Why We Should Embrace, Not Resist, Our Changing Bodies
The mirror is no longer just a place to see our reflections, it’s become the central place to assess and criticize our flaws. My stomach should be tighter. My legs should be skinnier. My butt should be firmer. The laws of what our bodies should and shouldn’t look like cause insecurities in women of all shapes and sizes from a young age and these feelings are only perpetuated by the growing use of social media platforms like Instagram that push filtered images of ‘perfection’ in front of us every single day. We are only human, and it is in our nature to want to be wanted and loved. Yet we are taught from a young age that, to be desired by another is the ultimate reward. But in order to achieve that desire you must acquire a look that is so niche and unrealistic that it’s often hard to ever feel at peace with yourself when looking at your own reflection.
The pressure placed on women by society has always been a known issue but, to be honest, it was never something I felt directly affected by. I consider myself to be a very body-positive person and I stay fit and healthy, not because I see stick-thin models in magazines but, because I want to stay fit and healthy for myself.
It wasn’t until I fell pregnant that I started to think more about the unrealistic images of the ‘ideal woman’ that are thrust onto us every day and how hugely unfair that is on us. We are expected to have perfectly tight flat stomachs, toned, long legs, slender and delicate arms and long flowing luscious hair yet, we are also expected to bear children. Our uteruses are stretched to the size of a watermelon (usually they are the size of a small pear), our stomachs expand to a size that our skin cannot provide sufficient amounts of elasticity to cope with, our breasts expand and deflate more than a balloon at a children’s party and our bodies are filled with more hormones than they know what to do with, causing crazy effects on our skin, emotional wellbeing and energy levels. After all that, we have to push something the size of a watermelon out of an opening the size of a peach and then we’re expected to bounce back to goddess-level perfection and engage in the process of pro-creation all over again.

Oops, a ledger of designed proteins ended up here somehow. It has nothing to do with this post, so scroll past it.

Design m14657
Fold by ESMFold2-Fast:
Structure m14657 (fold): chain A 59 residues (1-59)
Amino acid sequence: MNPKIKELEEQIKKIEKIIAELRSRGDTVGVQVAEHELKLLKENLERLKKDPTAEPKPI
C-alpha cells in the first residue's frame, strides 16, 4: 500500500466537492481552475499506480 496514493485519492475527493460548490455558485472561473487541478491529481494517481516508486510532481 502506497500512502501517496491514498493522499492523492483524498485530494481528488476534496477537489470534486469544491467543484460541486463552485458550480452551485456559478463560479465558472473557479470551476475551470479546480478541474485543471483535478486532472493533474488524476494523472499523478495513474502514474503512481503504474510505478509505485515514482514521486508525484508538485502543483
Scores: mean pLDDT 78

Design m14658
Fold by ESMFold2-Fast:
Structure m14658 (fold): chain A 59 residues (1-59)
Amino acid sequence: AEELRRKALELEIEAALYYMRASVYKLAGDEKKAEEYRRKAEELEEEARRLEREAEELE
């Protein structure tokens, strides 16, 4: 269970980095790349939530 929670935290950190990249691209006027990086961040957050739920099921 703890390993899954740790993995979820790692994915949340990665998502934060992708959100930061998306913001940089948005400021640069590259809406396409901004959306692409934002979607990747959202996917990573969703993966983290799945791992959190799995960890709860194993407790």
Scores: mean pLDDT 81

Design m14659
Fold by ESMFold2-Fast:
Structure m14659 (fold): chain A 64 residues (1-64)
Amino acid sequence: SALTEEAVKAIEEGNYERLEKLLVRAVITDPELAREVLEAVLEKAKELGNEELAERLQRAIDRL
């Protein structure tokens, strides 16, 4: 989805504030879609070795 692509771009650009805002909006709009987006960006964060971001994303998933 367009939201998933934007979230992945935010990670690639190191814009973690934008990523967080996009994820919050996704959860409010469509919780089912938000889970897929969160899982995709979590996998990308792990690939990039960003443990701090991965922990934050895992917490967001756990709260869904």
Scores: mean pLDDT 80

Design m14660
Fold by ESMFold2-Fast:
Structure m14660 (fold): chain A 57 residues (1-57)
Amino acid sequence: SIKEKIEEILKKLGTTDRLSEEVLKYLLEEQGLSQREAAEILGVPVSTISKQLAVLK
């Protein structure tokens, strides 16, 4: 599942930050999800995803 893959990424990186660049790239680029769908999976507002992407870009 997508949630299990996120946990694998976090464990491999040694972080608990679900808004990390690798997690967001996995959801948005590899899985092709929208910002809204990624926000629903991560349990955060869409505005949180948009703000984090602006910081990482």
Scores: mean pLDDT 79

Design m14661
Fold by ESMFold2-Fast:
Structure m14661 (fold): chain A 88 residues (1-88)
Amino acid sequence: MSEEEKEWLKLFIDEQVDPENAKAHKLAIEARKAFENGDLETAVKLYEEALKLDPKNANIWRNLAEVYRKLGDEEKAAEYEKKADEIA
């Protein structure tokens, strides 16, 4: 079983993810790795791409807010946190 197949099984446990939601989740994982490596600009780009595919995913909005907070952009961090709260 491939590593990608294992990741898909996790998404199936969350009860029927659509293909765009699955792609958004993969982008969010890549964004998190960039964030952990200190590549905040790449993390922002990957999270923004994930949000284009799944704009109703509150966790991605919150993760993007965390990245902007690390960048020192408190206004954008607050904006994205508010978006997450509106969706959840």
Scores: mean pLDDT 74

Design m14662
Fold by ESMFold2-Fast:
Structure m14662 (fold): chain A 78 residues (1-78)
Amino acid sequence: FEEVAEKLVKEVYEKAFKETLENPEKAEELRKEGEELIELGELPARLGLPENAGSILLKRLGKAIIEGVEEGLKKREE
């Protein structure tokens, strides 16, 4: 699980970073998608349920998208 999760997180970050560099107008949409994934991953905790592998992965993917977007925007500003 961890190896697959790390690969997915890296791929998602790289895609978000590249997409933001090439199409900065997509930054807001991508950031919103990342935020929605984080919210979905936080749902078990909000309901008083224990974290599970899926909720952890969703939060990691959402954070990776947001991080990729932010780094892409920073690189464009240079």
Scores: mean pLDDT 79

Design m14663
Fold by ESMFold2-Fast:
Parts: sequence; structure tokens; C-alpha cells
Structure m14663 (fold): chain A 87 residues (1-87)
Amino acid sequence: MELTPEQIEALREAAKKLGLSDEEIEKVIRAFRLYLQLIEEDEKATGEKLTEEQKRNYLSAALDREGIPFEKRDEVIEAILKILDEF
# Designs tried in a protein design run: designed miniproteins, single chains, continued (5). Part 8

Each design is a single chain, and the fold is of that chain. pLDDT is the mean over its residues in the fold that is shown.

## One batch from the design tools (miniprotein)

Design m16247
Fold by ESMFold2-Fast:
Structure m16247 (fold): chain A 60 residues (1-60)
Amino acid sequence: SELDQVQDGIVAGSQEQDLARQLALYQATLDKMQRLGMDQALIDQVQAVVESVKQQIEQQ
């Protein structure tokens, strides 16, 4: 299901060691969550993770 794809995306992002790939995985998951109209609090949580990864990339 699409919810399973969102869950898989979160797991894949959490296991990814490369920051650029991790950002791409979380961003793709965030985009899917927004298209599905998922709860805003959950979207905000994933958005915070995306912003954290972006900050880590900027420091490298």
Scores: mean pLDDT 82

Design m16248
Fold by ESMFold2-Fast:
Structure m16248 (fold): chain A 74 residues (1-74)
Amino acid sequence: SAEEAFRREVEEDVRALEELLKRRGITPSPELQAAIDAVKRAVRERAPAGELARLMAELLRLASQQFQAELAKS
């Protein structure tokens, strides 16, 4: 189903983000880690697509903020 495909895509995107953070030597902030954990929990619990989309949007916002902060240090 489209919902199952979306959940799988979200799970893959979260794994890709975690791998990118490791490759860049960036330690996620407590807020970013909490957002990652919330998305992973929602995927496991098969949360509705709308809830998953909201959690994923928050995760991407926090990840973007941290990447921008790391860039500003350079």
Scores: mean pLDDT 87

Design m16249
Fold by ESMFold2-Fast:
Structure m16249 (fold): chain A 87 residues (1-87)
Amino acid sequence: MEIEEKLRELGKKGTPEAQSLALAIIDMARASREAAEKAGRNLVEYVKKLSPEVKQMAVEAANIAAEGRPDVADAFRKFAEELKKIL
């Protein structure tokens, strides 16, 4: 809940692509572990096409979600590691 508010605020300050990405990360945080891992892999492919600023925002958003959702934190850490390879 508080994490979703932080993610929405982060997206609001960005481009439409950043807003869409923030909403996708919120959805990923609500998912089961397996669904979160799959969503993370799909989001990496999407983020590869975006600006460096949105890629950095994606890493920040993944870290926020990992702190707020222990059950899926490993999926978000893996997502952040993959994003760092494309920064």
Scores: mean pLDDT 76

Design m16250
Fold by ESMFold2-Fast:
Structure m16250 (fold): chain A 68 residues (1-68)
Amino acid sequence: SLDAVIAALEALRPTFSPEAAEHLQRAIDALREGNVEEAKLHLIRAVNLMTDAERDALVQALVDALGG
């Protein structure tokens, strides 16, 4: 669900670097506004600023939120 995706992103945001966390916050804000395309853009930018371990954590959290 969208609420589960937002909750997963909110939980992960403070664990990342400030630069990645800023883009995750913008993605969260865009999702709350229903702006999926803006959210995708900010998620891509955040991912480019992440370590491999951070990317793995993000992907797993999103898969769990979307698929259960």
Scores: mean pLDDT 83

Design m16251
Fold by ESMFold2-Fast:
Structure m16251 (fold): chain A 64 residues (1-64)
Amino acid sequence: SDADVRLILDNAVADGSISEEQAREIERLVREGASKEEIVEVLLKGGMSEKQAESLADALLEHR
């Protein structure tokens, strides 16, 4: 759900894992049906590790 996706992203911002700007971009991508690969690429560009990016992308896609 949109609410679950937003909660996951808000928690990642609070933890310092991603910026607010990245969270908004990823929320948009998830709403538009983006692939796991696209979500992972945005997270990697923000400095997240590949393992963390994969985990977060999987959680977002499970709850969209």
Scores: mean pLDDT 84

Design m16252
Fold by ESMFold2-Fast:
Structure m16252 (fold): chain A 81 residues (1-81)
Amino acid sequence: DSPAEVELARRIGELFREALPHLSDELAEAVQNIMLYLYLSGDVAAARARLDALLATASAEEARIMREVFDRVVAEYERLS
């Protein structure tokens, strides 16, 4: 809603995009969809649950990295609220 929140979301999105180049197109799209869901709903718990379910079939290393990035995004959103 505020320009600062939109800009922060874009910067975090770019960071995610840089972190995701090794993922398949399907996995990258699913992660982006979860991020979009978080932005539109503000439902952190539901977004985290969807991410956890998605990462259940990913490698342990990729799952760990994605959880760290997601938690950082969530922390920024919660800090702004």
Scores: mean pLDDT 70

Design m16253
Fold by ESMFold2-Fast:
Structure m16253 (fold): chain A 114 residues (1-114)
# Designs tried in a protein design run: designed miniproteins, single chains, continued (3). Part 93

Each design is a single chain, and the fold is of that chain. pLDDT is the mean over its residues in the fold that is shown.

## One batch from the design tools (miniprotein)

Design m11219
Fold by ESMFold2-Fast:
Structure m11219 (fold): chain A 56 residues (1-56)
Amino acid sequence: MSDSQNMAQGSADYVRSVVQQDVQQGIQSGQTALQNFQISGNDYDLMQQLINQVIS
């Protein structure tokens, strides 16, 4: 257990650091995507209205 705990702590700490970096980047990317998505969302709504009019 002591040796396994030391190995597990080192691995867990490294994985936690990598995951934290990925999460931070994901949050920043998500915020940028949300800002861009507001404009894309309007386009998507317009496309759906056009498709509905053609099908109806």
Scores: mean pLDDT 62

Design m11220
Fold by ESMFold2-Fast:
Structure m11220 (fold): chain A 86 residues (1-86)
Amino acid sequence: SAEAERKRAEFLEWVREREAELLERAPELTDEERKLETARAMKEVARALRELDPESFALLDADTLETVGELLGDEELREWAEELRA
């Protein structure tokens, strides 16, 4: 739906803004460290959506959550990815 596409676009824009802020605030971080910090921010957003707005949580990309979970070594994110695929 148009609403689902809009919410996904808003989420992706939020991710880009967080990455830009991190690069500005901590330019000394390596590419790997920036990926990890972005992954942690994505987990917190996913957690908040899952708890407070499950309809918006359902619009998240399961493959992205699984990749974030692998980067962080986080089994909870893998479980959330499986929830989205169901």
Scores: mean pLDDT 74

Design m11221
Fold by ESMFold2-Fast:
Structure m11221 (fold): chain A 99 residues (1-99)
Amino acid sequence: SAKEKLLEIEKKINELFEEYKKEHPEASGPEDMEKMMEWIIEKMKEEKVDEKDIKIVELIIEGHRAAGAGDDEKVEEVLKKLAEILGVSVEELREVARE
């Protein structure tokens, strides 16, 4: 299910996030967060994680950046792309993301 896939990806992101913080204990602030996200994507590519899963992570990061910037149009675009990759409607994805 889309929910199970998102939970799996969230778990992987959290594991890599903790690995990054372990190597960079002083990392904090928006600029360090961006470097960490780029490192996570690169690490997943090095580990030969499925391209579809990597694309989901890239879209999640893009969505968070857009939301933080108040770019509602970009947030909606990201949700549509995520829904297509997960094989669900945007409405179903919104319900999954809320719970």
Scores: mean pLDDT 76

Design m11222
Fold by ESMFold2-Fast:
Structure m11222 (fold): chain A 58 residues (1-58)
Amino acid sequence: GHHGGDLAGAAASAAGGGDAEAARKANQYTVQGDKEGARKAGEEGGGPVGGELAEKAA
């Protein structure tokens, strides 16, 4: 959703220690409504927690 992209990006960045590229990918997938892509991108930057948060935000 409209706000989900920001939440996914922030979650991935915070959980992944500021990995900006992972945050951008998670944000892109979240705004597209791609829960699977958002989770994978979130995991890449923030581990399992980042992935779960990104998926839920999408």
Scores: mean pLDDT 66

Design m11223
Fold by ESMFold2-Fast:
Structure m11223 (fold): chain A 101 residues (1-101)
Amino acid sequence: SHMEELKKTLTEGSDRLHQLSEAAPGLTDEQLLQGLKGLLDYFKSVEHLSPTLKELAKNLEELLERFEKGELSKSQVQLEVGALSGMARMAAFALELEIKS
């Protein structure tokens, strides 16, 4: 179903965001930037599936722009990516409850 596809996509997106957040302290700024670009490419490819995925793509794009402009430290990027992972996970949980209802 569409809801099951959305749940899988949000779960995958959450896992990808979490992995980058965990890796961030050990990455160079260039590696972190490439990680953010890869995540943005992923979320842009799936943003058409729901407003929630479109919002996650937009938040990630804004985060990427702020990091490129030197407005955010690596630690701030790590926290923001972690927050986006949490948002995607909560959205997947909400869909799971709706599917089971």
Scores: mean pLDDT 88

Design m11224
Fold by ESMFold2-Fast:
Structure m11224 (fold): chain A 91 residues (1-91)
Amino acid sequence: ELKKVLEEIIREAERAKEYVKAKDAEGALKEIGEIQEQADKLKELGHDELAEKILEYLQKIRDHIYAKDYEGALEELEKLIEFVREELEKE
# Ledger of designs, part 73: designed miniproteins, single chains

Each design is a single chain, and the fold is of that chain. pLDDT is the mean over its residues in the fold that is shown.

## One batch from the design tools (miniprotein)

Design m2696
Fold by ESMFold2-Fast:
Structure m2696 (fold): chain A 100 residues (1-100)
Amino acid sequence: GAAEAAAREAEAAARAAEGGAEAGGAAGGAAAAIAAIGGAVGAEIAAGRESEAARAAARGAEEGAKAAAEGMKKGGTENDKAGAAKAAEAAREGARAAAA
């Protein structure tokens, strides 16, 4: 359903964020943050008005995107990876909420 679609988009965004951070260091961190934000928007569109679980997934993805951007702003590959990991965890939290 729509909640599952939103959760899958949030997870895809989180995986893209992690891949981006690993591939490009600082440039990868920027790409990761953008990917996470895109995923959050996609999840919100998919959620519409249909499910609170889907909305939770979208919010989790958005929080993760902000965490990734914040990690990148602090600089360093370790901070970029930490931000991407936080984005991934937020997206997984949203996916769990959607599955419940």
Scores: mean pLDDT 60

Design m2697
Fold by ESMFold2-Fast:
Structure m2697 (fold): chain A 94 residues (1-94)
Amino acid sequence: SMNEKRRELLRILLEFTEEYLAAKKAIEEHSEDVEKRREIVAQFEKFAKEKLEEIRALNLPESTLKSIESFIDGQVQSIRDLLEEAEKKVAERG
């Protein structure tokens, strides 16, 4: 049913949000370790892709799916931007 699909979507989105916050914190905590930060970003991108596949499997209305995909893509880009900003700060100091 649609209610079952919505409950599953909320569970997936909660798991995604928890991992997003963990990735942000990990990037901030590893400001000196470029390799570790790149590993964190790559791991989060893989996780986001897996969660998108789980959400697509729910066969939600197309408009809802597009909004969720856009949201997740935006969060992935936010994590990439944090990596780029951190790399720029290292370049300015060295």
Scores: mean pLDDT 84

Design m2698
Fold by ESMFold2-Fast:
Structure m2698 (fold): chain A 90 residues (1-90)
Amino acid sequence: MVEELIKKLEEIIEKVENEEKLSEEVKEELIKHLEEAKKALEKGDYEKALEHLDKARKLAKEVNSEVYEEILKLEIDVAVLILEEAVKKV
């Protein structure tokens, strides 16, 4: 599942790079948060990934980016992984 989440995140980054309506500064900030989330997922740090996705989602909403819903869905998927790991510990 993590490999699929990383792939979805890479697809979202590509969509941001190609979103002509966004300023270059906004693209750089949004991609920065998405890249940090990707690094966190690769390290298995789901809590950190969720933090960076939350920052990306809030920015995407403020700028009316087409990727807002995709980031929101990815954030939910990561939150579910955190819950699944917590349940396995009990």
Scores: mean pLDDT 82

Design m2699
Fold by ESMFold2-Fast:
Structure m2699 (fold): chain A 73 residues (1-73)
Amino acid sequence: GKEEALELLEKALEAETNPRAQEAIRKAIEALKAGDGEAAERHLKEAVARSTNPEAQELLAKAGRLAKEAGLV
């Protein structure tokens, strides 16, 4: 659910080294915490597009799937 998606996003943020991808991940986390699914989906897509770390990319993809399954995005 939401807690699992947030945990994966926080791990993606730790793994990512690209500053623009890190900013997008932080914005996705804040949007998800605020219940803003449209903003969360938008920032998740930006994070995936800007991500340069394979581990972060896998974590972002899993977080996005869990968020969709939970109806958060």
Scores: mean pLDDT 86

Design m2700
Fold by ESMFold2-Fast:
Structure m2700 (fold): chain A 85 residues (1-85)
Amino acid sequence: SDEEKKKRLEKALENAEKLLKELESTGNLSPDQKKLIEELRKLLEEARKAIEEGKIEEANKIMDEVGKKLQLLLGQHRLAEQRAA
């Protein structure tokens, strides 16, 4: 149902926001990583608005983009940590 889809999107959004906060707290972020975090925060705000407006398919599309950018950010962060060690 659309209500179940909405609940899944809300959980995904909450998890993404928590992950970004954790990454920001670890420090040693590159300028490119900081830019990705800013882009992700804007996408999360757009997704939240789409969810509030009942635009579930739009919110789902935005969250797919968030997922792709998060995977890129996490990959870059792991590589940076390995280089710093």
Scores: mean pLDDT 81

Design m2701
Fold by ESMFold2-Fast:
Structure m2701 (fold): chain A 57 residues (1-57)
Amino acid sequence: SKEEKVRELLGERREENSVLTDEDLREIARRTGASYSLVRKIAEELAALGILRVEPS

The idea of body image issues is something I started to think about more and more when I fell pregnant and I think this is the case for a lot of women. After all, for most, there may be no other time in their lives when their body goes through such a large size and weight difference between one and nine months.
To me, accepting our changing bodies is by no means isolated to pregnancy. Our bodies change throughout our entire lives yet, the image of the ‘perfect woman’ stays exactly the same and I think that sucks. Our changing bodies are what make us superhuman — seriously, how is it possible that we can grow life inside of us, run marathons or become weightlifters if we are apparently ‘the weaker sex’? Despite the amount of crap going on in our bodies, we still continue to have more female CEOs, more successful female millionaires and entrepreneurs and fight the stereotypical pressures of what an ‘ideal woman’ looks like.
I am both in awe of and inspired by my changing body and, being only in the early stages of pregnancy, I still have more surprises to come. In the space of one year, my body has run the New York Marathon, created a baby and will, of course, give birth to one too. Not only am I damn proud of that but I could care less if there’s a couple of stretch marks or loose skin that’s left after that — I’d expect that at the very least! I will continue to do the things that make me happy like running, cooking or indulging in my favorite sweet treats and I will embrace my new body like the temple that it is. We all should, because we are all rockstars.